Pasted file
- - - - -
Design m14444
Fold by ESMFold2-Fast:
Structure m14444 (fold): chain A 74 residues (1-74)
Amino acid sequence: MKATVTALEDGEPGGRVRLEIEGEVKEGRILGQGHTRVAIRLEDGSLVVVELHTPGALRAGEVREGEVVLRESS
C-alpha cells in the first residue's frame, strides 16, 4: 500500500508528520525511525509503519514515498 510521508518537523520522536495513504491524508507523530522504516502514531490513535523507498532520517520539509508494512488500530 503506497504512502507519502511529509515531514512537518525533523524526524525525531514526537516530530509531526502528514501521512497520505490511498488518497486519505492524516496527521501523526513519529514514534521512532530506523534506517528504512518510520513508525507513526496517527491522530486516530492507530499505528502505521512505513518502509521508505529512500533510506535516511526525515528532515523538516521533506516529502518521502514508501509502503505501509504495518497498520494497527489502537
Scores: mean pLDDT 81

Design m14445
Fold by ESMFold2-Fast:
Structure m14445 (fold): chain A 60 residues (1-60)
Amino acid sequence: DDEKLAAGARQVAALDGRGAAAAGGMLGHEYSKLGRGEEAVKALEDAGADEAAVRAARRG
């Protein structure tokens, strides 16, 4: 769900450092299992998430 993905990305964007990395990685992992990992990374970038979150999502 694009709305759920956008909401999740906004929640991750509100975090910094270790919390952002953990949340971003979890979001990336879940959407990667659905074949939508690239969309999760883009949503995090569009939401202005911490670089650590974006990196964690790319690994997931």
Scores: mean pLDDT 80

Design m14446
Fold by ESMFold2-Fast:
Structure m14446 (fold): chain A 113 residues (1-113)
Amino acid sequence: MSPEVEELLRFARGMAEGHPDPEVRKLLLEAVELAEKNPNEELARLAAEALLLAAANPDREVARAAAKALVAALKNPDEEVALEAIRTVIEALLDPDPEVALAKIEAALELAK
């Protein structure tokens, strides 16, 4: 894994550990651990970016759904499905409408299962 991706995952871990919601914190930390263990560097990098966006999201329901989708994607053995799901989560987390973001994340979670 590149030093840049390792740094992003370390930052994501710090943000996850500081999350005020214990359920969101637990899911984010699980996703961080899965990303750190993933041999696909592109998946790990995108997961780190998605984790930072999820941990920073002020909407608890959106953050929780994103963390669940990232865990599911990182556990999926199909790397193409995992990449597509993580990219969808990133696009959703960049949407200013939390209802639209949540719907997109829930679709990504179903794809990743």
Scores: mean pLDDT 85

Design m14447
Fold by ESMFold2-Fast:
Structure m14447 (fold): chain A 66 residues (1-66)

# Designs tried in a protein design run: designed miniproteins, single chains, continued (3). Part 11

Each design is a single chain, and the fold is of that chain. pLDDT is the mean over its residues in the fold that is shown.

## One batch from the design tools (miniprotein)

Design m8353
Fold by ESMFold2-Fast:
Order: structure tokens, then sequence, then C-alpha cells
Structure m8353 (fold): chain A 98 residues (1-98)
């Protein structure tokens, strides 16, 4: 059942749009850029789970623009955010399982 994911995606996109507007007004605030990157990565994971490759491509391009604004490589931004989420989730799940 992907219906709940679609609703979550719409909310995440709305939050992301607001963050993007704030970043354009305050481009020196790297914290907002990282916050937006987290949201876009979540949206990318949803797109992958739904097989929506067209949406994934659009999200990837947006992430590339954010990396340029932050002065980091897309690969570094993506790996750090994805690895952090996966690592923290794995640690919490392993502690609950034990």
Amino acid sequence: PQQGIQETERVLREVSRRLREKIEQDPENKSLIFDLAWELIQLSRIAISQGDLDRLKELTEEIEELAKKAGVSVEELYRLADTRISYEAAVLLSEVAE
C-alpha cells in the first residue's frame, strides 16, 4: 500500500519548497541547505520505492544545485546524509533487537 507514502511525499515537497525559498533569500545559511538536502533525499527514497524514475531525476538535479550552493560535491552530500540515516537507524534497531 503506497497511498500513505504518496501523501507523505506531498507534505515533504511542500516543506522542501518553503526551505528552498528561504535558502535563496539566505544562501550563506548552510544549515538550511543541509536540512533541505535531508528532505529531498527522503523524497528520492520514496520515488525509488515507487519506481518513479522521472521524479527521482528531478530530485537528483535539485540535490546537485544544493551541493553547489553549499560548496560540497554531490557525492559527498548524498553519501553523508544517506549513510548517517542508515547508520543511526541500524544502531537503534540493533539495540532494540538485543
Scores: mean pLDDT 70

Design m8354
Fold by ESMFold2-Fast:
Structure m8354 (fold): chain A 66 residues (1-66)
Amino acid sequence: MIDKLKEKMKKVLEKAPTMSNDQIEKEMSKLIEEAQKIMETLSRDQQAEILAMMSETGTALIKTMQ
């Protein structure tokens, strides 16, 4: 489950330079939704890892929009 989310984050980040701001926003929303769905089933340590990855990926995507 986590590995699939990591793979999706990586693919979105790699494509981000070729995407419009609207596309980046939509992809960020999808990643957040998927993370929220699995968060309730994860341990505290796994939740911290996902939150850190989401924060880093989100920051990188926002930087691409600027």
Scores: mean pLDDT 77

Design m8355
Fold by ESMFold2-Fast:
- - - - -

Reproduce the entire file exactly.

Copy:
Design m14444
Fold by ESMFold2-Fast:
Structure m14444 (fold): chain A 74 residues (1-74)
Amino acid sequence: MKATVTALEDGEPGGRVRLEIEGEVKEGRILGQGHTRVAIRLEDGSLVVVELHTPGALRAGEVREGEVVLRESS
C-alpha cells in the first residue's frame, strides 16, 4: 500500500508528520525511525509503519514515498 510521508518537523520522536495513504491524508507523530522504516502514531490513535523507498532520517520539509508494512488500530 503506497504512502507519502511529509515531514512537518525533523524526524525525531514526537516530530509531526502528514501521512497520505490511498488518497486519505492524516496527521501523526513519529514514534521512532530506523534506517528504512518510520513508525507513526496517527491522530486516530492507530499505528502505521512505513518502509521508505529512500533510506535516511526525515528532515523538516521533506516529502518521502514508501509502503505501509504495518497498520494497527489502537
Scores: mean pLDDT 81

Design m14445
Fold by ESMFold2-Fast:
Structure m14445 (fold): chain A 60 residues (1-60)
Amino acid sequence: DDEKLAAGARQVAALDGRGAAAAGGMLGHEYSKLGRGEEAVKALEDAGADEAAVRAARRG
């Protein structure tokens, strides 16, 4: 769900450092299992998430 993905990305964007990395990685992992990992990374970038979150999502 694009709305759920956008909401999740906004929640991750509100975090910094270790919390952002953990949340971003979890979001990336879940959407990667659905074949939508690239969309999760883009949503995090569009939401202005911490670089650590974006990196964690790319690994997931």
Scores: mean pLDDT 80

Design m14446
Fold by ESMFold2-Fast:
Structure m14446 (fold): chain A 113 residues (1-113)
Amino acid sequence: MSPEVEELLRFARGMAEGHPDPEVRKLLLEAVELAEKNPNEELARLAAEALLLAAANPDREVARAAAKALVAALKNPDEEVALEAIRTVIEALLDPDPEVALAKIEAALELAK
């Protein structure tokens, strides 16, 4: 894994550990651990970016759904499905409408299962 991706995952871990919601914190930390263990560097990098966006999201329901989708994607053995799901989560987390973001994340979670 590149030093840049390792740094992003370390930052994501710090943000996850500081999350005020214990359920969101637990899911984010699980996703961080899965990303750190993933041999696909592109998946790990995108997961780190998605984790930072999820941990920073002020909407608890959106953050929780994103963390669940990232865990599911990182556990999926199909790397193409995992990449597509993580990219969808990133696009959703960049949407200013939390209802639209949540719907997109829930679709990504179903794809990743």
Scores: mean pLDDT 85

Design m14447
Fold by ESMFold2-Fast:
Structure m14447 (fold): chain A 66 residues (1-66)

# Designs tried in a protein design run: designed miniproteins, single chains, continued (3). Part 11

Each design is a single chain, and the fold is of that chain. pLDDT is the mean over its residues in the fold that is shown.

## One batch from the design tools (miniprotein)

Design m8353
Fold by ESMFold2-Fast:
Order: structure tokens, then sequence, then C-alpha cells
Structure m8353 (fold): chain A 98 residues (1-98)
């Protein structure tokens, strides 16, 4: 059942749009850029789970623009955010399982 994911995606996109507007007004605030990157990565994971490759491509391009604004490589931004989420989730799940 992907219906709940679609609703979550719409909310995440709305939050992301607001963050993007704030970043354009305050481009020196790297914290907002990282916050937006987290949201876009979540949206990318949803797109992958739904097989929506067209949406994934659009999200990837947006992430590339954010990396340029932050002065980091897309690969570094993506790996750090994805690895952090996966690592923290794995640690919490392993502690609950034990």
Amino acid sequence: PQQGIQETERVLREVSRRLREKIEQDPENKSLIFDLAWELIQLSRIAISQGDLDRLKELTEEIEELAKKAGVSVEELYRLADTRISYEAAVLLSEVAE
C-alpha cells in the first residue's frame, strides 16, 4: 500500500519548497541547505520505492544545485546524509533487537 507514502511525499515537497525559498533569500545559511538536502533525499527514497524514475531525476538535479550552493560535491552530500540515516537507524534497531 503506497497511498500513505504518496501523501507523505506531498507534505515533504511542500516543506522542501518553503526551505528552498528561504535558502535563496539566505544562501550563506548552510544549515538550511543541509536540512533541505535531508528532505529531498527522503523524497528520492520514496520515488525509488515507487519506481518513479522521472521524479527521482528531478530530485537528483535539485540535490546537485544544493551541493553547489553549499560548496560540497554531490557525492559527498548524498553519501553523508544517506549513510548517517542508515547508520543511526541500524544502531537503534540493533539495540532494540538485543
Scores: mean pLDDT 70

Design m8354
Fold by ESMFold2-Fast:
Structure m8354 (fold): chain A 66 residues (1-66)
Amino acid sequence: MIDKLKEKMKKVLEKAPTMSNDQIEKEMSKLIEEAQKIMETLSRDQQAEILAMMSETGTALIKTMQ
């Protein structure tokens, strides 16, 4: 489950330079939704890892929009 989310984050980040701001926003929303769905089933340590990855990926995507 986590590995699939990591793979999706990586693919979105790699494509981000070729995407419009609207596309980046939509992809960020999808990643957040998927993370929220699995968060309730994860341990505290796994939740911290996902939150850190989401924060880093989100920051990188926002930087691409600027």
Scores: mean pLDDT 77

Design m8355
Fold by ESMFold2-Fast: